In many ways, running is less about your legs and more about your brain. The proper training, goals and strategy for a race are often where successful performances begin and end.
The Broad Street Run, widely regarded as the best 10-mile race in the United States, is less than a month away. Most runners are deep into their training regimens and coming up with their plan of attack.
But whether you’ve been thinking about the race for months or are just beginning to come up with a strategy, it’s never a bad time to get a few extra tips
Kevin Gard, physical therapist and clinical professor in the College of Nursing and Health Professions, is one of the heads of Drexel’s Running Performance and Research Center. Gard and the staff at the Center use cutting edge technology to analyze the mechanics of runners to perfect their gaits and avoid injuries that could potentially occur in races like Broad Street.
In light of that, Gard provided five tips to keep in mind for planning to finish your race with the best possible result —safely.
- Don’t forget to taper.
This part of your training is key to restoring your glycogen levels to allow for optimum performance. You shouldn’t be using this time to catch up on long runs you’ve missed. This is your time for rest and restoration.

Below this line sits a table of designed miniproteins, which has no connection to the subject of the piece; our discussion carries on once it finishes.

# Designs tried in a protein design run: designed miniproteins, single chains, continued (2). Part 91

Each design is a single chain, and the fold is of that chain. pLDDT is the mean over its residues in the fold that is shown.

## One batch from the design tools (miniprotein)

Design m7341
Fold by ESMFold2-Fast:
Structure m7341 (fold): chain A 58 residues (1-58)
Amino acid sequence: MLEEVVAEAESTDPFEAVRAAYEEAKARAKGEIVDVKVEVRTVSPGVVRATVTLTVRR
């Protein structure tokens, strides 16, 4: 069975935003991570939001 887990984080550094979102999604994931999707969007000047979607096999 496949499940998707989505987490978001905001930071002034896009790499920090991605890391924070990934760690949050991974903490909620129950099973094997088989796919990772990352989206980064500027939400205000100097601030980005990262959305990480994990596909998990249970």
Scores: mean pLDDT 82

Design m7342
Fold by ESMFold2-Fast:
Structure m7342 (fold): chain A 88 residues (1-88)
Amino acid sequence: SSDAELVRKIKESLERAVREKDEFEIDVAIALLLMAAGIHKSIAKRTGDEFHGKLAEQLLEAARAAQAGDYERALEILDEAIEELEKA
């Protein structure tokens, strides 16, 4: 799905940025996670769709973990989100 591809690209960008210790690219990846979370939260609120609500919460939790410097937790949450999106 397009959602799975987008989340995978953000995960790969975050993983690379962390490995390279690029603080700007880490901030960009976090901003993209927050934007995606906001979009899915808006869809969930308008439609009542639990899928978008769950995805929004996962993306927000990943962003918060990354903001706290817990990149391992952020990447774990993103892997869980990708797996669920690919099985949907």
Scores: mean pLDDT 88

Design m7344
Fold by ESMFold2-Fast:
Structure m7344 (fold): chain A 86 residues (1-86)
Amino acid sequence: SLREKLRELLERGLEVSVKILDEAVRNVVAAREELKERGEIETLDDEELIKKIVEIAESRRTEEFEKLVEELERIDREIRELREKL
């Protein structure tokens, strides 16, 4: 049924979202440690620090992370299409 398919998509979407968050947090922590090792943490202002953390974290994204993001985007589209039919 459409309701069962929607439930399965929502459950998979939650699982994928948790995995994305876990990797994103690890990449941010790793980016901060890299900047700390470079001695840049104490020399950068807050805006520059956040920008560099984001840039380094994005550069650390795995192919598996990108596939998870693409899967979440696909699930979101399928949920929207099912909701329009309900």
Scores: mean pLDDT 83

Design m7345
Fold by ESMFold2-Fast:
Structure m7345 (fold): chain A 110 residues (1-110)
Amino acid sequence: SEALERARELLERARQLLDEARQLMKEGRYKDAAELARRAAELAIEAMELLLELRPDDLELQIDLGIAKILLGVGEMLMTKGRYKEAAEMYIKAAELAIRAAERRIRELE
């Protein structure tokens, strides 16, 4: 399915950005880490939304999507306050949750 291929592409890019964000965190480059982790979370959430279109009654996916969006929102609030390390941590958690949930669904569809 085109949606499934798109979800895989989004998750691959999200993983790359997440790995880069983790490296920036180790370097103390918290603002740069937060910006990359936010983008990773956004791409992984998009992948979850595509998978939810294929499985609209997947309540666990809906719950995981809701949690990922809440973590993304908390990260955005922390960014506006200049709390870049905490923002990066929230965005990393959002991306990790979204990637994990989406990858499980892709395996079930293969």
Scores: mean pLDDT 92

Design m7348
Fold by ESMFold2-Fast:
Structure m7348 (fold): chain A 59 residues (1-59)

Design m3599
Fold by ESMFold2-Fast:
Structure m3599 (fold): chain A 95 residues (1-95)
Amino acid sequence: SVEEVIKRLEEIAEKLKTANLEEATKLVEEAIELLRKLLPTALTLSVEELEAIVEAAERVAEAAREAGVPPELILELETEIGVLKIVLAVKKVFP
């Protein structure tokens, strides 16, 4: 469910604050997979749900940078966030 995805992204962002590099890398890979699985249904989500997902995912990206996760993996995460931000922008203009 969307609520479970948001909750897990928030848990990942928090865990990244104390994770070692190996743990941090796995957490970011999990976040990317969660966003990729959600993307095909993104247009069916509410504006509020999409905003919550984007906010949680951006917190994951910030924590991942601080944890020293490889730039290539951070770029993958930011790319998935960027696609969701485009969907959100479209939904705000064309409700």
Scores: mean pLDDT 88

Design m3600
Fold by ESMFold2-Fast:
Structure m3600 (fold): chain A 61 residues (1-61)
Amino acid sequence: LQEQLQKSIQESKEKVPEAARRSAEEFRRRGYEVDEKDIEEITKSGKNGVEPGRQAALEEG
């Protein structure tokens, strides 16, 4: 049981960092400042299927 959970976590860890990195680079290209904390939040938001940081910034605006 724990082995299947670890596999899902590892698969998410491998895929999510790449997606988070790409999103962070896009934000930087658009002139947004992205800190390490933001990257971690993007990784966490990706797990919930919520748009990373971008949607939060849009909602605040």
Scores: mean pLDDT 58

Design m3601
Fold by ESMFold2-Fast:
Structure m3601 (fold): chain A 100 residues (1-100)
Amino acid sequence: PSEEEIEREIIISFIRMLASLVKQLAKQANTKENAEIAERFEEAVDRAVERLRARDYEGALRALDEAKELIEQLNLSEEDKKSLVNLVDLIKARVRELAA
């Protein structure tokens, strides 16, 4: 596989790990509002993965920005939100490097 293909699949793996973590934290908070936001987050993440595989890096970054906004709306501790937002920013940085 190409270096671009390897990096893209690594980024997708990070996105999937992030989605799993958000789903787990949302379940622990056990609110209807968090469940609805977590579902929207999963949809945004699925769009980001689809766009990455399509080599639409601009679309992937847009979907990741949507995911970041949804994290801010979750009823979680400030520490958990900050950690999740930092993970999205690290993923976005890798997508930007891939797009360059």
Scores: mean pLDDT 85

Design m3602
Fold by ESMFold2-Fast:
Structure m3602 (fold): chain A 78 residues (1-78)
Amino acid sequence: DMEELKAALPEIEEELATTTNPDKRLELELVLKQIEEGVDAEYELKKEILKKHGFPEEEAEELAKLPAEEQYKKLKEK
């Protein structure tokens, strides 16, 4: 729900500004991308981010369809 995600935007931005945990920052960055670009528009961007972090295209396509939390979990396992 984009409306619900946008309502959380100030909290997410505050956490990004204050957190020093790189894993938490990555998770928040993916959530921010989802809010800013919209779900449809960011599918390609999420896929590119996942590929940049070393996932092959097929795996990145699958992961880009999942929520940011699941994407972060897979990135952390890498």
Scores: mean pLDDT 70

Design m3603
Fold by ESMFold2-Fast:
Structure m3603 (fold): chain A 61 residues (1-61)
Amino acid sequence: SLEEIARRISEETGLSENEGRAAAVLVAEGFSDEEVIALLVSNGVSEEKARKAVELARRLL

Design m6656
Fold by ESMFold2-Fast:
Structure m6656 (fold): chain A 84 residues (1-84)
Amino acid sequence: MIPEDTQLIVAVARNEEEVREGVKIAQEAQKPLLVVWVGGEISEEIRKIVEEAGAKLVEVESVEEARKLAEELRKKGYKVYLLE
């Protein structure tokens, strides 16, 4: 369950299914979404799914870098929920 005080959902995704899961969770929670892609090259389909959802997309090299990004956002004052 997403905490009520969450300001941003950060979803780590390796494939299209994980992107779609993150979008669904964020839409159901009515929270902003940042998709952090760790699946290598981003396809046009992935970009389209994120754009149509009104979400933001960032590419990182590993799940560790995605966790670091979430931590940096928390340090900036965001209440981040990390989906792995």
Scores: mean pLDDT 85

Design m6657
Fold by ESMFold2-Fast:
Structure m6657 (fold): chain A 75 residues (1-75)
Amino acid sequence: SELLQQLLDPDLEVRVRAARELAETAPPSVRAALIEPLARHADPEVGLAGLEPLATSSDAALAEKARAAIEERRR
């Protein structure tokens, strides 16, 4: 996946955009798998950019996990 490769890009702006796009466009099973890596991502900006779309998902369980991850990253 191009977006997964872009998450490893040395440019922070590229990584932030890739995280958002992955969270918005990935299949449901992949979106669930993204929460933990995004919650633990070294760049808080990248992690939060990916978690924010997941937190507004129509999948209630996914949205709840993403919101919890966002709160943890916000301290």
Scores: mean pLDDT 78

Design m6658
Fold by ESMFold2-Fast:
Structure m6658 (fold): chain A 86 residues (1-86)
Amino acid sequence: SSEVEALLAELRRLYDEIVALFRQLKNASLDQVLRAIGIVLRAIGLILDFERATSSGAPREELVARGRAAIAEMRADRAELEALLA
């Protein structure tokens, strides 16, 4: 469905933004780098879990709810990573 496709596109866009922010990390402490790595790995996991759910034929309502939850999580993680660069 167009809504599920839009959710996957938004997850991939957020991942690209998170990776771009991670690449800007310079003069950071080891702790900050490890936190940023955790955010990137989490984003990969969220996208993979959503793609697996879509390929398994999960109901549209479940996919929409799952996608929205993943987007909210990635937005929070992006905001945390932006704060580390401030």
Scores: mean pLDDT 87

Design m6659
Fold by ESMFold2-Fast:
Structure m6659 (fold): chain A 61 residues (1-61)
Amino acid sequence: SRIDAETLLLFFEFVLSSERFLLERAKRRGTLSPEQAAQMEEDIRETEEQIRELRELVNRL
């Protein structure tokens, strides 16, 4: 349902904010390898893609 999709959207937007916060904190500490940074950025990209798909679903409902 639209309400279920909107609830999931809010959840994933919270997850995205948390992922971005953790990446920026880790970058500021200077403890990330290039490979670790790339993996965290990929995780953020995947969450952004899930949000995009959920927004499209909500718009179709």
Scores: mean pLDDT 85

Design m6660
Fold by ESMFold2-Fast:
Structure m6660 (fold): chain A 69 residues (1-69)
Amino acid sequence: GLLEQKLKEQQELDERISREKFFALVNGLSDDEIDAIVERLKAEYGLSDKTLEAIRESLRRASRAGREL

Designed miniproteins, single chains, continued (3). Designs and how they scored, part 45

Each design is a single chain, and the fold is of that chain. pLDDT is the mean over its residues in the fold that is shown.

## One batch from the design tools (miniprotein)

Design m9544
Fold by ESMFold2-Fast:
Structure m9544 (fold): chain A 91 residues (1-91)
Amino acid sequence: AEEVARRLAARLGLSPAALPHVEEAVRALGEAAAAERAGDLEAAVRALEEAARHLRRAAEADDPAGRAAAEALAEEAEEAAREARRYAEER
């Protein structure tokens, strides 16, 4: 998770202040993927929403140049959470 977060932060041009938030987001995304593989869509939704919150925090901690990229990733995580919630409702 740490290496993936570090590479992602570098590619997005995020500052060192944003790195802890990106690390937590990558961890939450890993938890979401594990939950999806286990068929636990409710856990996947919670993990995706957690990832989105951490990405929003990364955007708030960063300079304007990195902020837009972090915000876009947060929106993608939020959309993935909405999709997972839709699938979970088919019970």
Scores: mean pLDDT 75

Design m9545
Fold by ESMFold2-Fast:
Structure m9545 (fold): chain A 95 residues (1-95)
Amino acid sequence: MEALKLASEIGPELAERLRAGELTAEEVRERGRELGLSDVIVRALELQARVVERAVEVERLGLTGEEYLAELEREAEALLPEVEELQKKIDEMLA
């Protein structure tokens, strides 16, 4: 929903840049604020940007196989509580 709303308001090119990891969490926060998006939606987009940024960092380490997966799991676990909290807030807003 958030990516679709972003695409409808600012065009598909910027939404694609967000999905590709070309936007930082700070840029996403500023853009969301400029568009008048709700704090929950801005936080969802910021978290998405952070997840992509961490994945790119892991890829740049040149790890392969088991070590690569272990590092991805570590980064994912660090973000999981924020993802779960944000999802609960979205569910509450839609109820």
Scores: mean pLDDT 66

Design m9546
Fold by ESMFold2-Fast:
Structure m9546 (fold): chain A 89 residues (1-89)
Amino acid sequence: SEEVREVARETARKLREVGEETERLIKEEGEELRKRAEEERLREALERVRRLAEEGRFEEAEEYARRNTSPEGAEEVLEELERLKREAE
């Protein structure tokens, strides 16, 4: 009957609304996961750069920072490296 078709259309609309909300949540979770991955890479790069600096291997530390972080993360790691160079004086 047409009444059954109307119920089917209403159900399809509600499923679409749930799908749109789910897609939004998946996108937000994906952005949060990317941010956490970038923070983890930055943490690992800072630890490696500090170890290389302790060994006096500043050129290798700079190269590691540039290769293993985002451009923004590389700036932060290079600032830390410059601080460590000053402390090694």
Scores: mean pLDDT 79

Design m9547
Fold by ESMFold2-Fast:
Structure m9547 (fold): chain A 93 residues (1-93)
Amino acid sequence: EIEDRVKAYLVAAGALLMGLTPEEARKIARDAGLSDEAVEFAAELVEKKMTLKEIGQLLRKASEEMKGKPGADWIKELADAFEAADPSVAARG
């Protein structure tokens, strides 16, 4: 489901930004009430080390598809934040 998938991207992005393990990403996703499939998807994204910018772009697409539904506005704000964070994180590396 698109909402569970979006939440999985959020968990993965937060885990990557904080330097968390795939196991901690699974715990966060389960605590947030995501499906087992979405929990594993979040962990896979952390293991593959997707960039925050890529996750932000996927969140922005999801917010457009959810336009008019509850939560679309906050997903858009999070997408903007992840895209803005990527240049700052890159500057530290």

- Don’t ignore a potential injury.
Some of those aches and pains you feel when you’re running may not be normal, especially if they’re forcing you to alter your form. When in doubt, see someone who specializes in running injuries immediately. They may be able to help you get past those injuries with tape, braces or modifications so that you can race as planned.
- Set goals, but be flexible.
Create three goals for yourself: the best result, the “okay” result and the goal you would use if the wheels really fell off. As you’re running, adjust those goals and mentally prepare for what you’re experiencing. Things don’t always go perfectly on race day.
- Follow your routine.
Your race should mirror your training routine. Don’t use race day to try out something new. Replicate the pace, clothing and food choices that work best for you.
- Pace yourself.
If you do want to pick up speed, make sure you do so at the right time. Resist the urge to cross the starting line at lighting speed and, instead, make the first mile the slowest of your race. From there, gradually fall into your training pace. If you feel good, start pushing your pace around mile 8. Once you reach the Navy Yard, it’s a sprint to the finish!
For more tips for your run down Broad Street, register for a free webcast by Gard, which will be followed by a live Q&A Wednesday, April 27.